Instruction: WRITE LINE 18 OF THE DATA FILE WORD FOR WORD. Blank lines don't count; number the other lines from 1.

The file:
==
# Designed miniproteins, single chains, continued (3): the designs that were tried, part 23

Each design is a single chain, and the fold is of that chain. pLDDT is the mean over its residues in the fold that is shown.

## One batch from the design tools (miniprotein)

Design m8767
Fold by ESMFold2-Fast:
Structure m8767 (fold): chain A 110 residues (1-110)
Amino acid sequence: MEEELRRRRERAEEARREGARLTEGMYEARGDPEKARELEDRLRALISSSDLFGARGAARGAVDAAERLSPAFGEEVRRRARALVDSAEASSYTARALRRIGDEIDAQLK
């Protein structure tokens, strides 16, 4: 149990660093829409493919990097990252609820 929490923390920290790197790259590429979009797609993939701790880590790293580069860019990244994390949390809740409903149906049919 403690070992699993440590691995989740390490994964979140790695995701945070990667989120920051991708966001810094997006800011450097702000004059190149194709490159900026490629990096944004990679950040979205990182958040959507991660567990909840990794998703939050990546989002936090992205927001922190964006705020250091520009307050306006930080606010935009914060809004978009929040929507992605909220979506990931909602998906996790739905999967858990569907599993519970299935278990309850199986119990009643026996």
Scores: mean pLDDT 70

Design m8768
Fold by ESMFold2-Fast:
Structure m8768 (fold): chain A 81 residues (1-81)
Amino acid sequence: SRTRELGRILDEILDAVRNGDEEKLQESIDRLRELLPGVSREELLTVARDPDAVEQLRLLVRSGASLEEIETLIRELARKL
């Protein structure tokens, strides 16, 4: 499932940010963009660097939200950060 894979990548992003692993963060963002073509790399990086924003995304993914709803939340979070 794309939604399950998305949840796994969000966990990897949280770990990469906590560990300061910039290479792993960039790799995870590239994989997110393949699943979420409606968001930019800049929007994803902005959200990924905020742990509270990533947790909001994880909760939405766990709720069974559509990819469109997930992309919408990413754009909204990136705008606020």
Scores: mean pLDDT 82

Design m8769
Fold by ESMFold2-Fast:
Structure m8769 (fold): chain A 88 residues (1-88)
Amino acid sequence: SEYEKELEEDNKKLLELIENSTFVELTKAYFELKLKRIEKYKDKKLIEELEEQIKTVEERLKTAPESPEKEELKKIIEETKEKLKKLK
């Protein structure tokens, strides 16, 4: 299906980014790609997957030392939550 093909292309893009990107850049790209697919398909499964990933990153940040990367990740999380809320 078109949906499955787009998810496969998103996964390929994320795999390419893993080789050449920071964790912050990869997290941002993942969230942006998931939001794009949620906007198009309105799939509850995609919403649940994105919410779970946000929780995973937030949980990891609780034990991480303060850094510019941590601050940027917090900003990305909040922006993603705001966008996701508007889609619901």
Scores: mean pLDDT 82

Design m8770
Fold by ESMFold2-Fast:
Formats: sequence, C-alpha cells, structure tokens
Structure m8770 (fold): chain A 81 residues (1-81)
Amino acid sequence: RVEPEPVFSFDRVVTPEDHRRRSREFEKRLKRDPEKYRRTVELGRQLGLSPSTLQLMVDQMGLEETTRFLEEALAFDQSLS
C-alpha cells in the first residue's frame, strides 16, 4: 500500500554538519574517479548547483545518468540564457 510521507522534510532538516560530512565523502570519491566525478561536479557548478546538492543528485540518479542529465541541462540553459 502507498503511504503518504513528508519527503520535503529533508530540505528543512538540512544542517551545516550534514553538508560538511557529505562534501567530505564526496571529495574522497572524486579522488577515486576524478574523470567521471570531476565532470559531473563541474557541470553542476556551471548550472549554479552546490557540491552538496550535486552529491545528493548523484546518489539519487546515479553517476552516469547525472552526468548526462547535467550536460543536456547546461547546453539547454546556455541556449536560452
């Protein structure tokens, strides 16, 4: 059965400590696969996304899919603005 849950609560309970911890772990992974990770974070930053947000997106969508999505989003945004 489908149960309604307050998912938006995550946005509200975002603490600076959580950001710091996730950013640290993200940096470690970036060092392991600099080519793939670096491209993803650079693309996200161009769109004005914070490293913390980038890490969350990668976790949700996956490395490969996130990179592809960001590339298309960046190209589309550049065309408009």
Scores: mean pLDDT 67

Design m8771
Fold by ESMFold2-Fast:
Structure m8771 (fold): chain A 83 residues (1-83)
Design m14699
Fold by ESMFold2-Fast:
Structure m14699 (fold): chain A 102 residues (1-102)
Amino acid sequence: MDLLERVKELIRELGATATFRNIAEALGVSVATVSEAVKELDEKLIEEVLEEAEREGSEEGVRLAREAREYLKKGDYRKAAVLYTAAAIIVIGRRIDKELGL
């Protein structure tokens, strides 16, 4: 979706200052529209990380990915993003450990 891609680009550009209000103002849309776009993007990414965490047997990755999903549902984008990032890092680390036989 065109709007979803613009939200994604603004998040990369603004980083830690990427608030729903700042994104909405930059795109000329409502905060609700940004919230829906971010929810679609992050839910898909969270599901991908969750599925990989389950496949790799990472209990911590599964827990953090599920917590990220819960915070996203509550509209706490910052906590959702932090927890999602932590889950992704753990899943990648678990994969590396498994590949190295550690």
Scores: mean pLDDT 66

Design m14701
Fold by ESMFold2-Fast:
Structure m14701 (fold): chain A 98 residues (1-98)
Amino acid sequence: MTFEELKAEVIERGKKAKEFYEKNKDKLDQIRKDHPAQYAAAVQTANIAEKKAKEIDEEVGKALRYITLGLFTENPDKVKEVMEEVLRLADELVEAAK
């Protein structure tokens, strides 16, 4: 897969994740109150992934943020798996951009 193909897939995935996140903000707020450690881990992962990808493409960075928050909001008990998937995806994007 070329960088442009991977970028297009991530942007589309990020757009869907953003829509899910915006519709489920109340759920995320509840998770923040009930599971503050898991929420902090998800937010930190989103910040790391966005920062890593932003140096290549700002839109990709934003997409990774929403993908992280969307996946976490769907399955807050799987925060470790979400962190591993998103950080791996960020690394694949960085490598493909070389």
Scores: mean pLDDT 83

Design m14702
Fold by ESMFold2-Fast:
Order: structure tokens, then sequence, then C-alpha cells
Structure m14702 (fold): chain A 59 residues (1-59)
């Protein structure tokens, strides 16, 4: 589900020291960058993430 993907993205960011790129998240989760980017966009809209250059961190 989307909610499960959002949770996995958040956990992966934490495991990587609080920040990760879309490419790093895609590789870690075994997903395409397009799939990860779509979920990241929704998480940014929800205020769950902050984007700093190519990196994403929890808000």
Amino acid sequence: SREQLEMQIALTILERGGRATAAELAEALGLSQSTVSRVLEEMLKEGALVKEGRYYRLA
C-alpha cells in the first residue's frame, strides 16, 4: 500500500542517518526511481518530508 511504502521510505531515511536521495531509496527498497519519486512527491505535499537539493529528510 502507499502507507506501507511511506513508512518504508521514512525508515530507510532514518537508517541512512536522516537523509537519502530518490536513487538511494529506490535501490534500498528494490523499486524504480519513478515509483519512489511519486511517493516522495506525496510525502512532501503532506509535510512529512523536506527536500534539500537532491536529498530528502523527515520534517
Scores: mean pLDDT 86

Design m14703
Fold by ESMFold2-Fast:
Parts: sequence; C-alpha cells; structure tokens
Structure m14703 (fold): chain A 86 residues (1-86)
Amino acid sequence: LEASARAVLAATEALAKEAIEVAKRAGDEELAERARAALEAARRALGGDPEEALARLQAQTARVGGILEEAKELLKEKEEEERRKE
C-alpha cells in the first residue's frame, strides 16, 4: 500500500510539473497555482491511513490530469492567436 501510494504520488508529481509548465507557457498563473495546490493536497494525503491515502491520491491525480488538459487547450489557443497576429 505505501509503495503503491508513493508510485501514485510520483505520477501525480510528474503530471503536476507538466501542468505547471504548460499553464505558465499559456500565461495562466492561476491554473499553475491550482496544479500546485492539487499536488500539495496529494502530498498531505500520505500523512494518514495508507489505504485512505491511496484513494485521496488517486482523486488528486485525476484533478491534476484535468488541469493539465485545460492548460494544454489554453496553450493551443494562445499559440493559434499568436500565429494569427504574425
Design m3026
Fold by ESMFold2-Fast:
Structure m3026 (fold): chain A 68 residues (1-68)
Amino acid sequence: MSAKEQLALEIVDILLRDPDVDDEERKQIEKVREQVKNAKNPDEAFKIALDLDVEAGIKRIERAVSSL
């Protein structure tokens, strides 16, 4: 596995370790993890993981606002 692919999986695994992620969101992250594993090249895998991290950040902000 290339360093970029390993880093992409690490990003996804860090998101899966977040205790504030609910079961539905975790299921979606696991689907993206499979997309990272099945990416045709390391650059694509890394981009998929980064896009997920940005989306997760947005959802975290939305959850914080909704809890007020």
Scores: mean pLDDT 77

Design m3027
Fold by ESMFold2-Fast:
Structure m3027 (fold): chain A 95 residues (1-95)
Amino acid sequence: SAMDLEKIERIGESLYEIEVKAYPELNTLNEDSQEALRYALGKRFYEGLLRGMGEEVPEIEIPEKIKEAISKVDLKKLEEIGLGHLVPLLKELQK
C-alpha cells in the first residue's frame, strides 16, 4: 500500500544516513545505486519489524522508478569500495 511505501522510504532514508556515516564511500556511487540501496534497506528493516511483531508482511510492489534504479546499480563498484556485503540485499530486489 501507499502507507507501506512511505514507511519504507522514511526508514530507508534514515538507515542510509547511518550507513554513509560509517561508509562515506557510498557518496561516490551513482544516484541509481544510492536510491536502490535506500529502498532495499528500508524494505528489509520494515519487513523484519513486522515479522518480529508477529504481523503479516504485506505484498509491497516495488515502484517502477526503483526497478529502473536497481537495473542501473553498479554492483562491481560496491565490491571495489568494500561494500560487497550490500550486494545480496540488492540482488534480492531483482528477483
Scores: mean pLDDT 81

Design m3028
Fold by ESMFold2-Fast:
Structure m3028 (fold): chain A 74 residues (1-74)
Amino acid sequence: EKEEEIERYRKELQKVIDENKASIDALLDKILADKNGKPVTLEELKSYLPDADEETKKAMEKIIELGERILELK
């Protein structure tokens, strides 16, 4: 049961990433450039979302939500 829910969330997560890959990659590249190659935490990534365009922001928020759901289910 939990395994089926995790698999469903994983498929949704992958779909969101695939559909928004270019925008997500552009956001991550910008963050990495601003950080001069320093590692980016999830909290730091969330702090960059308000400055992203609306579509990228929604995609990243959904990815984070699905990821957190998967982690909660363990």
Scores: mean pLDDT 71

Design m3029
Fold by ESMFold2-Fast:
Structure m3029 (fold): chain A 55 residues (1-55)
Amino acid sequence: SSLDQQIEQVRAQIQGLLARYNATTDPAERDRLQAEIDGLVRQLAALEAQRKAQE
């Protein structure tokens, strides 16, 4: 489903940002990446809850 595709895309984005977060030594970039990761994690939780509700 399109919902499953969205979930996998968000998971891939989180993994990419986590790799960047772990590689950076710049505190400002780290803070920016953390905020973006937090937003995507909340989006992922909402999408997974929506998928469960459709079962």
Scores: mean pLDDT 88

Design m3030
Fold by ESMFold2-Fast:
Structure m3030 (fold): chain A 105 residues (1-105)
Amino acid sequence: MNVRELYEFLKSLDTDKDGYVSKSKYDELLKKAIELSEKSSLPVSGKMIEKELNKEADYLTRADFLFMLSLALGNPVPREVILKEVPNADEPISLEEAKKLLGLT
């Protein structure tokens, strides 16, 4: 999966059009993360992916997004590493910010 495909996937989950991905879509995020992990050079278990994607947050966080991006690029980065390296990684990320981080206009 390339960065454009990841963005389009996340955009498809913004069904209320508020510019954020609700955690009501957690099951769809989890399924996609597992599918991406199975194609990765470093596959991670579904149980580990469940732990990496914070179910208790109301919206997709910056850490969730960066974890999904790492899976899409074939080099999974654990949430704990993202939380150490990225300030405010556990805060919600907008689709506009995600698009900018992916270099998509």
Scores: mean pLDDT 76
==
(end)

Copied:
Structure m8769 (fold): chain A 88 residues (1-88)